Nestle fails at social media -

Nestle is a famously controversial company, and lately the world is screaming about palm oil being used in its products which is killing off orangutans. With the wide press coverage on this issue, it's no surprise the denizens of the internet are trying to engage with Nestle on social media such as Facebook.

Greenpeace today changed its home page to a mock-up of the Kit Kat logo  and urges visitors to 'stop Nestle destroying rainforests for palm oil' and to write to the CEO by way of its website. Some Facebook users have taken it upon themselves to change their profile pictures to the mock-up, which reads Nestle Killer instead of Kit Kat.

Any experienced press office would surely have a crisis management team on the case, correct? If so, it's clearly absent from the Nestle Facebook fan page. Which has over 90,000 'fans.' At the moment, whoever is running the Facebook account is taking a hostile approach and sarcastic tone towards curious visitors and potential customers.

The page says that Nestle welcomes comments, but "please don't post using an altered version of any of our logos as your profile pic - they will be deleted." Later whoever over in the Swiss HQ is handling the account goes on to say, "Oh please .. it's like we're censoring everything to allow only positive comments," and "I think you missed out the 'not' there" to one curious commenter who simply asked if the person writing the Facebook comments for Nestle actually has Nestle backing.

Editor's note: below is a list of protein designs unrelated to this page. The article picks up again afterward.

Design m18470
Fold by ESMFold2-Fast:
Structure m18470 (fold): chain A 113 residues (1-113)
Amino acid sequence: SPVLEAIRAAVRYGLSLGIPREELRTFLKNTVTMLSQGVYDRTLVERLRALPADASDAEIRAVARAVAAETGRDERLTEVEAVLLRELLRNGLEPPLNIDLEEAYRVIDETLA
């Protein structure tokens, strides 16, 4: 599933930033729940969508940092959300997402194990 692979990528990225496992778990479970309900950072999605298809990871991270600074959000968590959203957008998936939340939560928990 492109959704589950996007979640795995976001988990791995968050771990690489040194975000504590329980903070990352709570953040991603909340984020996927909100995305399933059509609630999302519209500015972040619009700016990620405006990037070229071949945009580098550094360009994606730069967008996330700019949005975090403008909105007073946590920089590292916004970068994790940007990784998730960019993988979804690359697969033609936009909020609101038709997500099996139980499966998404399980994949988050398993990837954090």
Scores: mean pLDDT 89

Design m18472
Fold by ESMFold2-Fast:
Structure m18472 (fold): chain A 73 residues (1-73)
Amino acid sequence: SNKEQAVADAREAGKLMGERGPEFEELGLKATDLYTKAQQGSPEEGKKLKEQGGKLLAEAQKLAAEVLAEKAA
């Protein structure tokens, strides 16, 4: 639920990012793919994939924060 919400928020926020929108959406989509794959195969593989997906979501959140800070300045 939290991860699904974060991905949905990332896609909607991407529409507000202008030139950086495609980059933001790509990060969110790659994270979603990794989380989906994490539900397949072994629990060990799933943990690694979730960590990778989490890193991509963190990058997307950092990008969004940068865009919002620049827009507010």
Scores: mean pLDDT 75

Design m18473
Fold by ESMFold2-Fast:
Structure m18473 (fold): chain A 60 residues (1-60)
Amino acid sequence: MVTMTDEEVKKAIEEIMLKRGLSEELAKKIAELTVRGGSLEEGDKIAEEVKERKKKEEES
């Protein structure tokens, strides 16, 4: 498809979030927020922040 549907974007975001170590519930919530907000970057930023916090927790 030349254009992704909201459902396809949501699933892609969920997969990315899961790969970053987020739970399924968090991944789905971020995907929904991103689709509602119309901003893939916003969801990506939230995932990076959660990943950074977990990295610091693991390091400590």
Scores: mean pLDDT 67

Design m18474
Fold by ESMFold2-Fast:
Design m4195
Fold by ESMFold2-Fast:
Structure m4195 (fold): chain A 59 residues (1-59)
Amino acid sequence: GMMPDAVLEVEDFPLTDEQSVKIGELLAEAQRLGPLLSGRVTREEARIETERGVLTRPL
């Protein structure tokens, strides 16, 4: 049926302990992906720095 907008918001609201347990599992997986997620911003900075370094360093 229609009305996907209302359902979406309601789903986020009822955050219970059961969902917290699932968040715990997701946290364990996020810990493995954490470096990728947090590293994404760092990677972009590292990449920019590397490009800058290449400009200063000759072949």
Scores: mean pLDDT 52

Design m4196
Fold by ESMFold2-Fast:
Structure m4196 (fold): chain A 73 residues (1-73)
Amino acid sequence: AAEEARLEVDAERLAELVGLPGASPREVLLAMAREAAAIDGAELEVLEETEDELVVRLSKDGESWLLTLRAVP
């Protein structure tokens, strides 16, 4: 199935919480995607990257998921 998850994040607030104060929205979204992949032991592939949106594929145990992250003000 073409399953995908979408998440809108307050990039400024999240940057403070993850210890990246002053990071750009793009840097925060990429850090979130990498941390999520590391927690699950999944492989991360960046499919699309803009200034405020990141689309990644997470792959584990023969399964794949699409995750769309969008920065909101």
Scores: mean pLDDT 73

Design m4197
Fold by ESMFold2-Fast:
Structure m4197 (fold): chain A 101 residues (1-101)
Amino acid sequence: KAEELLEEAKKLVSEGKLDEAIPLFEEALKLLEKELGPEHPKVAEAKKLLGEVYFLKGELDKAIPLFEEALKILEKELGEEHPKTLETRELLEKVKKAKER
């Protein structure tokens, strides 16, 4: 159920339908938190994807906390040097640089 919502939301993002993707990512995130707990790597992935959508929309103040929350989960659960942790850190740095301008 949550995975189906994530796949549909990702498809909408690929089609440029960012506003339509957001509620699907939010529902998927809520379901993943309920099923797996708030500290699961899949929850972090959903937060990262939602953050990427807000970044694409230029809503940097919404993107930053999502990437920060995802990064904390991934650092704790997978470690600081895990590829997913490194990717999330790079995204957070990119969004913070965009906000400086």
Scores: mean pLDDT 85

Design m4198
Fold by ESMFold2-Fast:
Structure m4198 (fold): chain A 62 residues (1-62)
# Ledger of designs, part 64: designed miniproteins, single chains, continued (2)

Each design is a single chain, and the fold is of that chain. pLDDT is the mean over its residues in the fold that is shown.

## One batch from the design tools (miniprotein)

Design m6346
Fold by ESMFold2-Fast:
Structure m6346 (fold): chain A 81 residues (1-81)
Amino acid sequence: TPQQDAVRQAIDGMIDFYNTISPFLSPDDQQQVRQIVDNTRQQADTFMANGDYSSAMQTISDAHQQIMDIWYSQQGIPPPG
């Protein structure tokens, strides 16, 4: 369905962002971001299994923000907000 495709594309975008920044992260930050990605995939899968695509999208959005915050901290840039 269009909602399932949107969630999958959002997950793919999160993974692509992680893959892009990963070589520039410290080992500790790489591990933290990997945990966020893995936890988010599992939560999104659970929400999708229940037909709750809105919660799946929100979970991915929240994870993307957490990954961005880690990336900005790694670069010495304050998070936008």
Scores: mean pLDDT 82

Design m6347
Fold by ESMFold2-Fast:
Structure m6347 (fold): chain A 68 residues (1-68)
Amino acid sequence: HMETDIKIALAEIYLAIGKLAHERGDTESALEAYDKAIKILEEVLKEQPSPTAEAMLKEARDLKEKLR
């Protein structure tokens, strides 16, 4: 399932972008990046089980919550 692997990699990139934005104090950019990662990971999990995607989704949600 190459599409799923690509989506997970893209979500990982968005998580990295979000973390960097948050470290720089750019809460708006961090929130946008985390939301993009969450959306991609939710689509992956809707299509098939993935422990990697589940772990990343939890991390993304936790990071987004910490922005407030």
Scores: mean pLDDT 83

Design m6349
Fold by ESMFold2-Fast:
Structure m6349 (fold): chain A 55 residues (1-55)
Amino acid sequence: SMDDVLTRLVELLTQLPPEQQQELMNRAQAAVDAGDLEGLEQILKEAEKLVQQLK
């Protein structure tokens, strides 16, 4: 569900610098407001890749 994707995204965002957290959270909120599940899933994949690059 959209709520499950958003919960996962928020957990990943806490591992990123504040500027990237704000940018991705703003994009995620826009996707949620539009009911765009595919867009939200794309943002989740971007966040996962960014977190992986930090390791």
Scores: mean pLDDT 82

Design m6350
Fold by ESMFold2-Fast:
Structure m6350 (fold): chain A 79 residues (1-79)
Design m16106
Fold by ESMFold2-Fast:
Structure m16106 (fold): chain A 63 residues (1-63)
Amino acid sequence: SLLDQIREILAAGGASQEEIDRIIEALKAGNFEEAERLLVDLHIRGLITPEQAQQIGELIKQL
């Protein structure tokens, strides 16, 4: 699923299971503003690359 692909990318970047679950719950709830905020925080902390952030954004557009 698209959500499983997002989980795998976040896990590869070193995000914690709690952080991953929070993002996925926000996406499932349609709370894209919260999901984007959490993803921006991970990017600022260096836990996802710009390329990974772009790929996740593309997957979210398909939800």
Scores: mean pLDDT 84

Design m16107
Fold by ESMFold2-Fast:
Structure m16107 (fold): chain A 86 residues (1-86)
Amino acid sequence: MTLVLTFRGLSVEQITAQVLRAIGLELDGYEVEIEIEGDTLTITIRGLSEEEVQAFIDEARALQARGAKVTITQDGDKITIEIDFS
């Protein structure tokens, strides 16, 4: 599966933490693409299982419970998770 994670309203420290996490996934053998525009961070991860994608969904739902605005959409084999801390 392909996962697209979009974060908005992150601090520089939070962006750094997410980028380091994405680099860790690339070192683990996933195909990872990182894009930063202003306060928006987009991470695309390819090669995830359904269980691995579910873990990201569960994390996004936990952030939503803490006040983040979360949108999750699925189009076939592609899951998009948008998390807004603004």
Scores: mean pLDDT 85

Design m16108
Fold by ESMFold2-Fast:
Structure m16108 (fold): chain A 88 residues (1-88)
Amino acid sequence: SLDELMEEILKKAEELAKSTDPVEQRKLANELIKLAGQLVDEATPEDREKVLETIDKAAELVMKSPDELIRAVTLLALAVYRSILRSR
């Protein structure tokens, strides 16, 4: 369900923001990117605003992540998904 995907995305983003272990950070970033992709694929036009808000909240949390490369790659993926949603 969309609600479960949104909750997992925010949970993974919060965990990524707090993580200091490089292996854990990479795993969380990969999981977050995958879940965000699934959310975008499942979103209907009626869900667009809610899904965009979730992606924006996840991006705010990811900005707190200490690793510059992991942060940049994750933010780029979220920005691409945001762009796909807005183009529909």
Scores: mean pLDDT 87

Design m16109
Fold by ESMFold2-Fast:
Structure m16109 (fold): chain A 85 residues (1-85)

We talked to the UK press office who assured us that yes, the Swiss HQ handles the social media accounts. "Even a dumb ass company like [Nestle] wouldn't get such an idiot to be their public voice," says commenter Helen Constable. We're sorry to say Helen, but yes, it's another case of a company trying its hand at social media and failing miserably, trying to impose its rules and censorship on a free platform for which it has no control.

Another commenter simply says "Honey, you need new PR" - we can't help but agree with this.

The internet is a tough thing to censor, and taking a nasty tone to orangutan fans (orangufans?) surely doesn't help Nestle beat its image as a nasty company. Have some screenshots:


The offending page is here. We have contacted the Swiss press office but so far have had no reply.

Helen Constable told TechEye: "I think Nestle's public relations are a disgrace. They've been patronising, rude and in some cases offensive. It makes a mockery of a very serious situation.

"While most people try to have a serious debate and want answers to serious questions, Nestle is doing a fine job of putting a veil over the facts, and attempting to wind people up and make them angry.

"The fact they're censoring the comments and pictures is awful. I had a link removed. The link was to a boycott Nestle fb group, which contained information on the formula milk scandal. I was told putting this on their page was 'link spamming'."